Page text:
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Progress in haemophilic care: ethical issues.

Berntorp, Erik LU (2002) In Haemophilia 8(3). p.435-438
Abstract
Care of haemophilic patients has dramatically improved during the past 40-50 years. Clotting factor concentrates have become much safer. Expensive treatments such as prophylaxis, immune-tolerance induction, the use of bypassing agents in inhibitor patients, and the replacement of joints have become available. However, there is still a shortage of factor concentrate, and we are yet to discover the most cost-effective treatment for patients. There is also a wide gap in the availability of these treatments between developing and developed countries, and a risk that patients are treated in unnecessarily expensive ways in some parts of the world compared with those who suffer from a lack of treatment in other parts, thus creating the ethical... (More)
Care of haemophilic patients has dramatically improved during the past 40-50 years. Clotting factor concentrates have become much safer. Expensive treatments such as prophylaxis, immune-tolerance induction, the use of bypassing agents in inhibitor patients, and the replacement of joints have become available. However, there is still a shortage of factor concentrate, and we are yet to discover the most cost-effective treatment for patients. There is also a wide gap in the availability of these treatments between developing and developed countries, and a risk that patients are treated in unnecessarily expensive ways in some parts of the world compared with those who suffer from a lack of treatment in other parts, thus creating the ethical dilemma of whether less safe but more affordable concentrates should be used in developing countries. Other issues that raise ethical problems are the use of molecular genetics and gene therapy. It is proposed that international working groups, preferably under the auspices of the World Health Organisation and the World Federation of Hemophilia, take responsibility to solve the ethical issues in haemophilic care, the basis of which should be to promote the education of modern care and to set up clinical studies, including studies on health economics, so that treatment and care are cost-effective and based on sound evidence. (Less)
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author
organization
publishing date
type
Contribution to journal
publication status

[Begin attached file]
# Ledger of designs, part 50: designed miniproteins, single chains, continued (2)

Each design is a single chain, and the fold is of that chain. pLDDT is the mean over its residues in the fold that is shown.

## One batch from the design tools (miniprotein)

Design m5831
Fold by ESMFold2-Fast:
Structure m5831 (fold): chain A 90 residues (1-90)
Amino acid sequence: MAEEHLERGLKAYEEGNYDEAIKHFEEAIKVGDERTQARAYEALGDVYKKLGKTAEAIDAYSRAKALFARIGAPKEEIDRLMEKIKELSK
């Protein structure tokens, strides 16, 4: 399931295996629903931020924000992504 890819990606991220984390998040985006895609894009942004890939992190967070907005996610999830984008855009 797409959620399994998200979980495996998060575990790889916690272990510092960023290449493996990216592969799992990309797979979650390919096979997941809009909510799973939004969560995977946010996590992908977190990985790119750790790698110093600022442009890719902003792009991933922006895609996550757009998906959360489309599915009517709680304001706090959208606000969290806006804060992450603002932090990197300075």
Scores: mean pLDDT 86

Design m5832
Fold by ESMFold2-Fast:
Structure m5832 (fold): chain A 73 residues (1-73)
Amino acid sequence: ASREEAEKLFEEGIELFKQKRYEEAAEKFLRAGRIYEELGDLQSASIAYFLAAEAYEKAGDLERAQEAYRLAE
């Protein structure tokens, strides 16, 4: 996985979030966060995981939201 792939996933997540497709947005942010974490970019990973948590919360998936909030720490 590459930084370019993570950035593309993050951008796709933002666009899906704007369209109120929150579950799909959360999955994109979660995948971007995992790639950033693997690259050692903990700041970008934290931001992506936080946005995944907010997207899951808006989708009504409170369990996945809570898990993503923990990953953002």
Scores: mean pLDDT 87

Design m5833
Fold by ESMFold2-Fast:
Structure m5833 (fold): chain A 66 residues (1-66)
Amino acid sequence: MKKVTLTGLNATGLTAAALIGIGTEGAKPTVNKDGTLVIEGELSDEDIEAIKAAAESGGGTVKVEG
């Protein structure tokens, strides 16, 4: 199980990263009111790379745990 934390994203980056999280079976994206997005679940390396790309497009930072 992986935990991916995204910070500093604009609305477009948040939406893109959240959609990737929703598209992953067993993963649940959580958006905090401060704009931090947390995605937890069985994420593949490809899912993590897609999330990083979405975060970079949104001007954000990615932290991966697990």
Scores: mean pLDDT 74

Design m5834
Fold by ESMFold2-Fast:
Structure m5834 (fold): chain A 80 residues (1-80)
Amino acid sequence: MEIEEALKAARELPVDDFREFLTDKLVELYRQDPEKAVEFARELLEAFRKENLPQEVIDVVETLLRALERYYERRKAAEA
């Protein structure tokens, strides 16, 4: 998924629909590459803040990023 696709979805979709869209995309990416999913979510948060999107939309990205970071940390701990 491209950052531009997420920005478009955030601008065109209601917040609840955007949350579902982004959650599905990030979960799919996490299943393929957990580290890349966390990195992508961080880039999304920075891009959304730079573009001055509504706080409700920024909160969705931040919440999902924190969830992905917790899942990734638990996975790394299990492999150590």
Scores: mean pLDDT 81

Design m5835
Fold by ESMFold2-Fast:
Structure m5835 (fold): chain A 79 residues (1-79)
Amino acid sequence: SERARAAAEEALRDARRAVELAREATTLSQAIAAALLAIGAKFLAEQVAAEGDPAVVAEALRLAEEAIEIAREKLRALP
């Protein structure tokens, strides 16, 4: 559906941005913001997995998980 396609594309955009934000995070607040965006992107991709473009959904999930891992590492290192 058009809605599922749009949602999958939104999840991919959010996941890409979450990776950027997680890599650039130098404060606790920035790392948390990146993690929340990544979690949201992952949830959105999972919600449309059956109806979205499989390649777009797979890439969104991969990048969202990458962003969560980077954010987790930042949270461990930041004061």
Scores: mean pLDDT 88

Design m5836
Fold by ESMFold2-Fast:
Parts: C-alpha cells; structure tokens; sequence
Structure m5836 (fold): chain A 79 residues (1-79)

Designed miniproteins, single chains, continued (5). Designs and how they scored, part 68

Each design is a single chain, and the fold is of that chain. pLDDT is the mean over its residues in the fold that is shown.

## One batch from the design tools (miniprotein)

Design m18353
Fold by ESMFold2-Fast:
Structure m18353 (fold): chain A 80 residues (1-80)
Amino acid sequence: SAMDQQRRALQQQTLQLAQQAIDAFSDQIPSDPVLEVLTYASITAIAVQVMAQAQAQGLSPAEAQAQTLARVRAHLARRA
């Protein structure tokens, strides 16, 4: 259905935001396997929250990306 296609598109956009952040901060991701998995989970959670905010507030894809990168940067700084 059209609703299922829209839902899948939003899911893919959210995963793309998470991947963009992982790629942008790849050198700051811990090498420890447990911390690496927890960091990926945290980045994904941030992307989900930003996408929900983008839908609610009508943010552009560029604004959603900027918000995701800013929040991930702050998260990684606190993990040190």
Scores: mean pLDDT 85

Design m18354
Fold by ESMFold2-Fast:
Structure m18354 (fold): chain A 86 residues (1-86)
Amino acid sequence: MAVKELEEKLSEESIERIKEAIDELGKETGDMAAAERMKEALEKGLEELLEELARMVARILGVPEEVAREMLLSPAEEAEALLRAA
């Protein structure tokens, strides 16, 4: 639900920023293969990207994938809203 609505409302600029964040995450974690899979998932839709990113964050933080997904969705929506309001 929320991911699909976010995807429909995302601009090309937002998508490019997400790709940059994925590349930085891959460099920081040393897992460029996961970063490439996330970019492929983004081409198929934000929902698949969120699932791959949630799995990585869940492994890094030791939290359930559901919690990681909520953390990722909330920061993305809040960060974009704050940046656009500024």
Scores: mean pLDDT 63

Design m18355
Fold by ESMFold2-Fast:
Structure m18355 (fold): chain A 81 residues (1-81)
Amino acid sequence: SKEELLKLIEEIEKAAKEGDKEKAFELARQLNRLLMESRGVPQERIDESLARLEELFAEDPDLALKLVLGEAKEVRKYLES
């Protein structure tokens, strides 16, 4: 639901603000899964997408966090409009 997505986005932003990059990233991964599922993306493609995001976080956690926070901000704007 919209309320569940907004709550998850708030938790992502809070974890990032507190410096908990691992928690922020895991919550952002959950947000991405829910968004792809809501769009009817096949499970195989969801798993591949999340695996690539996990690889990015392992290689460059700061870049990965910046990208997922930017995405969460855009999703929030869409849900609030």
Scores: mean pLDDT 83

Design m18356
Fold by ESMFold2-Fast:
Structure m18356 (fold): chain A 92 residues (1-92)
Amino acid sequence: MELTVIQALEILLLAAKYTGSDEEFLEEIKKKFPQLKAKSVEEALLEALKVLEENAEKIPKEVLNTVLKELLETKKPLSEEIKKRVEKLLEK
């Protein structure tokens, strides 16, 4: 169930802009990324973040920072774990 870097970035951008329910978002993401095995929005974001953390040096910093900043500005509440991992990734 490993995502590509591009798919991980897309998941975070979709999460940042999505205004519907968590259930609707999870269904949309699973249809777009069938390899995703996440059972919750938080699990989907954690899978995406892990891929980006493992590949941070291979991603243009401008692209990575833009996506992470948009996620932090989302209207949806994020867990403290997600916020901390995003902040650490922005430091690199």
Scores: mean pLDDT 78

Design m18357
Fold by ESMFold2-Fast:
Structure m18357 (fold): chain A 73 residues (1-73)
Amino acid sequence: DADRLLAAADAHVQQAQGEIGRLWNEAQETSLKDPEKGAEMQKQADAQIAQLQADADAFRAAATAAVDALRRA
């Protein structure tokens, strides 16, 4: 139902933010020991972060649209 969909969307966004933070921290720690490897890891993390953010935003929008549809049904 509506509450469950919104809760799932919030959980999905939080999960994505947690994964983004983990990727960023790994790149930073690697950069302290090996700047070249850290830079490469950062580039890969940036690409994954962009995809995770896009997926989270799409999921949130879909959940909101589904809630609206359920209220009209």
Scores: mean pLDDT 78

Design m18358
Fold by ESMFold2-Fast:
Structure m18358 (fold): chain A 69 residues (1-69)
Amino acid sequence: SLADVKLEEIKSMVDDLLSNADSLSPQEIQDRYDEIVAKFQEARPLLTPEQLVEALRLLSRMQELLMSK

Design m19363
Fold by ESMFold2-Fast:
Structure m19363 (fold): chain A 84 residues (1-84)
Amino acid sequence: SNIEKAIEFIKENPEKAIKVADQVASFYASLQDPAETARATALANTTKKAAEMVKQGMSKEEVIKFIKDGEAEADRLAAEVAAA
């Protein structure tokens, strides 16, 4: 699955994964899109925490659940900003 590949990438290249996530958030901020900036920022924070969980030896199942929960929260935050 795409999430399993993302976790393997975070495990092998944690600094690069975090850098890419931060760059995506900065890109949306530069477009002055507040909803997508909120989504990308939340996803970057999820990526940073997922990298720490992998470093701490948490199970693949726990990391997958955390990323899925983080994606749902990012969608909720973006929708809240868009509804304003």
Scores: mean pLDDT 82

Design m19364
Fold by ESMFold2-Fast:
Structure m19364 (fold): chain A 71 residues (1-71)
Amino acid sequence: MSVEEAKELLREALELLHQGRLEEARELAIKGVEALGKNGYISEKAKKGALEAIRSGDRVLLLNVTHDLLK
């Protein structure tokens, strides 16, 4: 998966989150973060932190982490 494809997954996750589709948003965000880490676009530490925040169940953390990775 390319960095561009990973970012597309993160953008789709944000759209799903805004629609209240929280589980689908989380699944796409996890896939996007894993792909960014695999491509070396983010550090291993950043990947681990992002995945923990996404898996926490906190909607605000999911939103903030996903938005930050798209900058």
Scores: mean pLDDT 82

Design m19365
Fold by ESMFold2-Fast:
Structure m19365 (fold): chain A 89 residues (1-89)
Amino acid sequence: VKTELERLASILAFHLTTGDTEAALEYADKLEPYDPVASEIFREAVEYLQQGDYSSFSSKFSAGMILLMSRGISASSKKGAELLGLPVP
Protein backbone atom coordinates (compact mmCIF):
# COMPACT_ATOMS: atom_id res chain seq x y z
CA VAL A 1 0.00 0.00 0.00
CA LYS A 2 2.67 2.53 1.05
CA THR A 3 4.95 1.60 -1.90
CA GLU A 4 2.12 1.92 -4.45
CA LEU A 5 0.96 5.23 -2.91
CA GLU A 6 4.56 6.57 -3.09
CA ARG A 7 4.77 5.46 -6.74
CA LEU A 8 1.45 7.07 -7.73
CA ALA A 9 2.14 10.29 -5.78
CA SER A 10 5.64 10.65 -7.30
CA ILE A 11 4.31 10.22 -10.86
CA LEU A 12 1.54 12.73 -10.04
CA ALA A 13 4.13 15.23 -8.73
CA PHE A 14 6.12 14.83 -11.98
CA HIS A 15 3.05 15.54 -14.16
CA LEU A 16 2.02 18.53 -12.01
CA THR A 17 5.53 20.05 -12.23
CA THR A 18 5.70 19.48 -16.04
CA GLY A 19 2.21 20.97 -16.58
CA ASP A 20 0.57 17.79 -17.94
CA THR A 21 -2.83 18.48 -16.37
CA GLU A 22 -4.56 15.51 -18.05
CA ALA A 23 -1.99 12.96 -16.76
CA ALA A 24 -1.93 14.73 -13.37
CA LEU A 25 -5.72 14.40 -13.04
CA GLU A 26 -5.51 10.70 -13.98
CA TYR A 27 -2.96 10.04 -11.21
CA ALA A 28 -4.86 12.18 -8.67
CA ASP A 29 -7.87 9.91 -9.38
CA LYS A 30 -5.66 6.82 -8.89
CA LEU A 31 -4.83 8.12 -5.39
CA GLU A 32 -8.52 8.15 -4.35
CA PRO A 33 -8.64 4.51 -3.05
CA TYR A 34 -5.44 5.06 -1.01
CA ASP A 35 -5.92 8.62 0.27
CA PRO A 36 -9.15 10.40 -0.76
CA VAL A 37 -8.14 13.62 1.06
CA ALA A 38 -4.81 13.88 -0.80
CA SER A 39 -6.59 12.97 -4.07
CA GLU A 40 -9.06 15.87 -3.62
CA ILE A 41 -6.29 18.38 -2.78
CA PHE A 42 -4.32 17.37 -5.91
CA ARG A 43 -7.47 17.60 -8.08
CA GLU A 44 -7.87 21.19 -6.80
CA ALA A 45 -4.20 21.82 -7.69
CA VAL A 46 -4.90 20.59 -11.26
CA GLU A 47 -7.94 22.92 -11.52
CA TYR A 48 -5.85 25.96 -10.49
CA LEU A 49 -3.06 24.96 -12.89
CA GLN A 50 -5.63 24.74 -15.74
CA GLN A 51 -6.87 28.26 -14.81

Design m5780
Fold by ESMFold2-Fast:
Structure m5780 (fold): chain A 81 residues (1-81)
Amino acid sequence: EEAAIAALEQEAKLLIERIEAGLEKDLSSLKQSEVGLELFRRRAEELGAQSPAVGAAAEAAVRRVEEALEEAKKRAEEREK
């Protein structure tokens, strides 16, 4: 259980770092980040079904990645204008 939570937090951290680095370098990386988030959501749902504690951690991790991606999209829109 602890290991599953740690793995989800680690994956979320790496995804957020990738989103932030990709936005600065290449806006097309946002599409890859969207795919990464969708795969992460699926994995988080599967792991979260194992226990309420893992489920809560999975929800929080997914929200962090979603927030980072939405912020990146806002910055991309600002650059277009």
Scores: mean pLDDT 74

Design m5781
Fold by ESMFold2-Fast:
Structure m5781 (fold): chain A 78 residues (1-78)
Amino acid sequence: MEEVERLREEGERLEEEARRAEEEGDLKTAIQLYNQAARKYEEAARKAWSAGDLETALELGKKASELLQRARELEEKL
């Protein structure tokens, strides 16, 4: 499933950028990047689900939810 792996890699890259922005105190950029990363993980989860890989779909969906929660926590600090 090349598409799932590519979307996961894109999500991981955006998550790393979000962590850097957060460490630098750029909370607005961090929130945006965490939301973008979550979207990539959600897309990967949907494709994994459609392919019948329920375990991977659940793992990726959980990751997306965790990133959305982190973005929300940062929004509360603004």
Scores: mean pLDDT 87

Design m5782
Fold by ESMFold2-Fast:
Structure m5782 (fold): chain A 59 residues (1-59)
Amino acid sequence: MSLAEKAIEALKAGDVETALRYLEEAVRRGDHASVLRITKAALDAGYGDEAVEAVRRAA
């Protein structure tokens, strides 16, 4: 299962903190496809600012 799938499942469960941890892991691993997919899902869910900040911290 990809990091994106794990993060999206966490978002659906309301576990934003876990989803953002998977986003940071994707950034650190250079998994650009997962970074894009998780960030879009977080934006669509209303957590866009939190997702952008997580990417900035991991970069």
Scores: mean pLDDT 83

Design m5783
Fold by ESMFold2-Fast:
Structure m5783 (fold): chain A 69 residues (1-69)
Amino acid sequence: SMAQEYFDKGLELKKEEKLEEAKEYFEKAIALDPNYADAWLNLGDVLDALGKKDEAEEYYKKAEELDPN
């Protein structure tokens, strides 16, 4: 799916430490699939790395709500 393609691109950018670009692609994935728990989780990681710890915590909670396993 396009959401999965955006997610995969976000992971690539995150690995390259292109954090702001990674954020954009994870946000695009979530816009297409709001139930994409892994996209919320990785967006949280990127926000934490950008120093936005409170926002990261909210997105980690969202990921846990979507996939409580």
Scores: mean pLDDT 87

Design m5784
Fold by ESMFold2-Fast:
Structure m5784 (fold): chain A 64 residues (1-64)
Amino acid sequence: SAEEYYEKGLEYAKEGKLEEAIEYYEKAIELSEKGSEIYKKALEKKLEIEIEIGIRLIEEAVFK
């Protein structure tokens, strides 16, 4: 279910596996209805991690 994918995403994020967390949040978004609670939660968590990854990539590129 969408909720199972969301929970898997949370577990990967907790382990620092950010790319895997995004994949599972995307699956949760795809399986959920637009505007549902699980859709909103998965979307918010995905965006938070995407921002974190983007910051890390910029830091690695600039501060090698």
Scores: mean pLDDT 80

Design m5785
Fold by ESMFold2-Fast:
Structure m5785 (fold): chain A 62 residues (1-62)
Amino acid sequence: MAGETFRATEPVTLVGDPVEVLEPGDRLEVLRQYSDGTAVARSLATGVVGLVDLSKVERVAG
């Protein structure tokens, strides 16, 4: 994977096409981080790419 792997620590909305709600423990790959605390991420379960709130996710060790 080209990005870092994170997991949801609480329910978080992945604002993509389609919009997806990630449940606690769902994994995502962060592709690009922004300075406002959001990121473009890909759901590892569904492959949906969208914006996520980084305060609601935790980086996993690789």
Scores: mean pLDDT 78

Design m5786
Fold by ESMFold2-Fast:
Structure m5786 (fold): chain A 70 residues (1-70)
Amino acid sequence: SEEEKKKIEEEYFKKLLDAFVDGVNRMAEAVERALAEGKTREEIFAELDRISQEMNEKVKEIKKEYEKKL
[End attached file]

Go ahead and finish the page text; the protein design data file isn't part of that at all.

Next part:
published
subject
in
Haemophilia
volume
8
issue
3
pages
435 - 438
publisher
Federation of European Neuroscience Societies and Blackwell Publishing Ltd
external identifiers
  • wos:000175668900044
  • pmid:12010446
  • scopus:0036588662
ISSN
1351-8216
DOI
10.1046/j.1365-2516.2002.00615.x
language
English
LU publication?
yes
id
25077d06-6b5d-48ea-b4cc-8443b8d1880a (old id 108225)
alternative location
http://www.ncbi.nlm.nih.gov:80/entrez/query.fcgi?cmd=Retrieve&db=PubMed&list_uids=12010446&dopt=Abstract
date added to LUP
2007-07-12 12:22:43
date last changed
2017-01-01 04:57:21
@article{25077d06-6b5d-48ea-b4cc-8443b8d1880a,
  abstract     = {Care of haemophilic patients has dramatically improved during the past 40-50 years. Clotting factor concentrates have become much safer. Expensive treatments such as prophylaxis, immune-tolerance induction, the use of bypassing agents in inhibitor patients, and the replacement of joints have become available. However, there is still a shortage of factor concentrate, and we are yet to discover the most cost-effective treatment for patients. There is also a wide gap in the availability of these treatments between developing and developed countries, and a risk that patients are treated in unnecessarily expensive ways in some parts of the world compared with those who suffer from a lack of treatment in other parts, thus creating the ethical dilemma of whether less safe but more affordable concentrates should be used in developing countries. Other issues that raise ethical problems are the use of molecular genetics and gene therapy. It is proposed that international working groups, preferably under the auspices of the World Health Organisation and the World Federation of Hemophilia, take responsibility to solve the ethical issues in haemophilic care, the basis of which should be to promote the education of modern care and to set up clinical studies, including studies on health economics, so that treatment and care are cost-effective and based on sound evidence.},
  author       = {Berntorp, Erik},
  issn         = {1351-8216},
  language     = {eng},
  number       = {3},
  pages        = {435--438},
  publisher    = {Federation of European Neuroscience Societies and Blackwell Publishing Ltd},
  series       = {Haemophilia},
  title        = {Progress in haemophilic care: ethical issues.},
  url          = {http://dx.doi.org/10.1046/j.1365-2516.2002.00615.x},
  volume       = {8},
  year         = {2002},
}